The recent Croatian offensive captured a large swath of territory, redrawing the Balkan battle lines once again. With the conflict in the Balkans entering this new chapter, here's a review of what the many sides are after, where they are and, perhaps, where they are headed.
What are the differences between Serbs and Croats?
Although they speak nearly identical languages, Serbs and Croats are divided by history, religion and alphabet. The Roman Catholic Croats lived for centuries under Austro-Hungarian rule. The Orthodox Serbs lived for centuries under the rule of Ottoman Turks. The Croats use Latin script, the Serbs Cyrillic. In World War II, Croatia fell under the rule of Ustasha fascists who were allied with the Nazis and killed hundreds of thousands of Serbs. After the war, Croats and Serbs lived together in Communist Yugoslavia.
Why are they now at war?
After the breakup of Yugoslavia federation in 1991, four of its republics--Slovenia, Croatia, Bosnia-Herzegovina and Macedonia--declared independence. But many Serbs living in Bosnia and Croatia opposed these moves because they wanted to remain part of a union with another republic, Serbia. Independence led to fierce three-way fighting in Bosnia and Croatia. The Serbs were accused of massacring thousands of Muslims and of forcing out hundreds of thousands in a campaign of ethnic cleansing.
How are Serbs allied with each other?
In principle, nationalist Serb leaders in Serbia, Bosnia-Herzegovina and Croatia are united in the dream of creating a "Greater Serbia." But Serbia's president, Slobodan Milosevic, whose nationalist rhetoric sparked the Serb rebellions in Croatia and Bosnia, has withdrawn outright support for his Serb brethren in those former Yugoslav republics. Milosevic is trying to persuade the world to lift economic sanctions imposed on Yugoslavia as a result of the warfare. Thus, leaders of the rebel Serbs in Bosnia and Croatia turned to each other for support.
Why did Croatia attack the rebel Serbs now?
Croatia has tired of waiting for peaceful negotiations to re-integrate territory captured by the Serbian rebels. Since 1991, Croatia has trained and equipped an army of 100,000 despite a U.N. arms embargo against it. The army proved its strength in a two-day offensive in May, recapturing the most weakly defended chunk of Serb-held land. Croatia and Bosnia agreed July 22 to bolster their military cooperation. That gave the Croats the ability to move into western Bosnia, the launching point for their victory in Krajina.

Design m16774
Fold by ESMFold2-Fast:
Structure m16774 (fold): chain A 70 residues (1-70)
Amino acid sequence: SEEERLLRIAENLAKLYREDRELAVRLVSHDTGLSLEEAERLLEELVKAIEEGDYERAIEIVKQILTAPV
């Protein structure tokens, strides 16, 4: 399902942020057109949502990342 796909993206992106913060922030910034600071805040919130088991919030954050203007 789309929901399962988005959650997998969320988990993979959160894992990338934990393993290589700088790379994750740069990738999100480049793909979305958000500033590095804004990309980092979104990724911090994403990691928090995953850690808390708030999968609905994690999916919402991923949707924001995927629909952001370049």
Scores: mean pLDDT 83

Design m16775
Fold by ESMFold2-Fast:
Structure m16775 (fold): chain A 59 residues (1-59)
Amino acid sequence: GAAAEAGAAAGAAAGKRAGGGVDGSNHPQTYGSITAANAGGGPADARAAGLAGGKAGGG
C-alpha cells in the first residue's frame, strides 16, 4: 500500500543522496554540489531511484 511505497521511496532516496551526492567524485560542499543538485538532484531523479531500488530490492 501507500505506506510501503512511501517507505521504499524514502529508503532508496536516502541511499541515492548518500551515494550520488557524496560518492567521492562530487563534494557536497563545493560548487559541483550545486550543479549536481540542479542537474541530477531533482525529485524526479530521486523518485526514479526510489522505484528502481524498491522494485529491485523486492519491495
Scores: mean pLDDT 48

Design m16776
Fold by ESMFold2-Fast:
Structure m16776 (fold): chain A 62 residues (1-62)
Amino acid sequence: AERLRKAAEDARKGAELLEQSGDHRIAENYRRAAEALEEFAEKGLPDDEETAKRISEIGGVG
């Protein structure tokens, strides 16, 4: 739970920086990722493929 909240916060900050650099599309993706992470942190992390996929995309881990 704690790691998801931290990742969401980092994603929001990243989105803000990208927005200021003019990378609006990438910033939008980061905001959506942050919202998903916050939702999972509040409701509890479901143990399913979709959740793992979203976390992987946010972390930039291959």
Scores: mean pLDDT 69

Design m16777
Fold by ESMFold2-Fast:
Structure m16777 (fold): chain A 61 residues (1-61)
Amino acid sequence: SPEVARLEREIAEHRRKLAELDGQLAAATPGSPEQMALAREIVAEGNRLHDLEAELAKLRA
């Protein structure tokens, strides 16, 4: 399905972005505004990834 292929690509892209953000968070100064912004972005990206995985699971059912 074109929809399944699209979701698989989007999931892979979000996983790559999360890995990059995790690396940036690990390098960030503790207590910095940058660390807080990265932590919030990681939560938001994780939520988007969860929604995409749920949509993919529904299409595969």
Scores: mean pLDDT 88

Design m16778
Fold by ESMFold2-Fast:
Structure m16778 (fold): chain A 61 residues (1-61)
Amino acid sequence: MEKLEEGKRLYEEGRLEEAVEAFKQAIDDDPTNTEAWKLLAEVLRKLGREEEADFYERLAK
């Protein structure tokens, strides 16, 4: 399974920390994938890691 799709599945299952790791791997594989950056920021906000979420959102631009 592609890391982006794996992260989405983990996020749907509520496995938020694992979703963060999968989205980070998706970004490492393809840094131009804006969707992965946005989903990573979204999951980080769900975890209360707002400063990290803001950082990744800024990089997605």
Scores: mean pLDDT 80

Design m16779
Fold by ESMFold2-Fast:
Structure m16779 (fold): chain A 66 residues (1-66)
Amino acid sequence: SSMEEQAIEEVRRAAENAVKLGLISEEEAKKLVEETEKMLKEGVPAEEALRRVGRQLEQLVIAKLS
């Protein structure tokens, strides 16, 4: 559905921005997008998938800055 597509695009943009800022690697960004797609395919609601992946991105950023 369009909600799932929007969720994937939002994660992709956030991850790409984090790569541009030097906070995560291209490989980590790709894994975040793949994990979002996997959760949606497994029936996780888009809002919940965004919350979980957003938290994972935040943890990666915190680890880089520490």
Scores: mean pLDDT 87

THE SHIFT IN BATTLE LINES
1. In June, 1991, a rebellion, centered in Knin, grew into open warfare after Croatia seceded from Serb-led Yugoslavia. The rebels, backed by the powerful Yugoslav army, captured the Krajina region, which is the part of Croatia dominated by Serbs. The war killed about 10,000 people and displaced hundreds of thousands.
2. The conflict then moved to Bosnia-Herzegovina. After three years of war, the Bosnian Serbs control about two-thirds of Bosnia. They have been isolated by the world community and Serbia for refusing an international peace plan. In the last 40 months, more than 200,000 people have been killed, most of them Muslims.
3. The conflict has come full circle, now centered on the very area it started four years ago. Croatian forces turned on Krajina last Friday. By Sunday morning Krajina, where Serbs lived for centuries, had "ceased to exist," said Croatia's Defense Ministry. An estimated 200,000 Serbs, civilian and military, are fleeing the region.
The Croatian offensive could create a new dynamic toward peace that would lead to a negotiated settlement of the conflict in neighboring Bosnia.
Serbian President Slobodan Milosevic and Croatian President Franjo Tudjman, invited to Russia for peace talks, could find a solution to the crisis in former Yugoslav federtion. So far, Tudjman has turned down the offer.
Croatia, flush with success after clearing the Krajina region of rebel Serbs, could target Serbs in Bosnia, triggering a major showdown between Serbia and Croatia.
Serbs fleeing Croatia could be incorporated into the rebel Serb army in Bosnia, making it even stronger.
The Croatian military could push against Eastern Slavonia, which borders Serbia, also triggering a showdown with Serbia.
Troop counts for the six armies:
Bosnian Serbs: 80,000
Army of the Republic of Serb Krajina: 50,000*
Army of West Bosnia: 5,000*
Fighting the Serbs
Army of Bosnia-Herzegovina: 150,000
Army of Croatia: 115,000
Croatian Defense Council (Bosnian Croats): 50,000
* does not reflect recent surrenders
Sources: Times staff and wire reports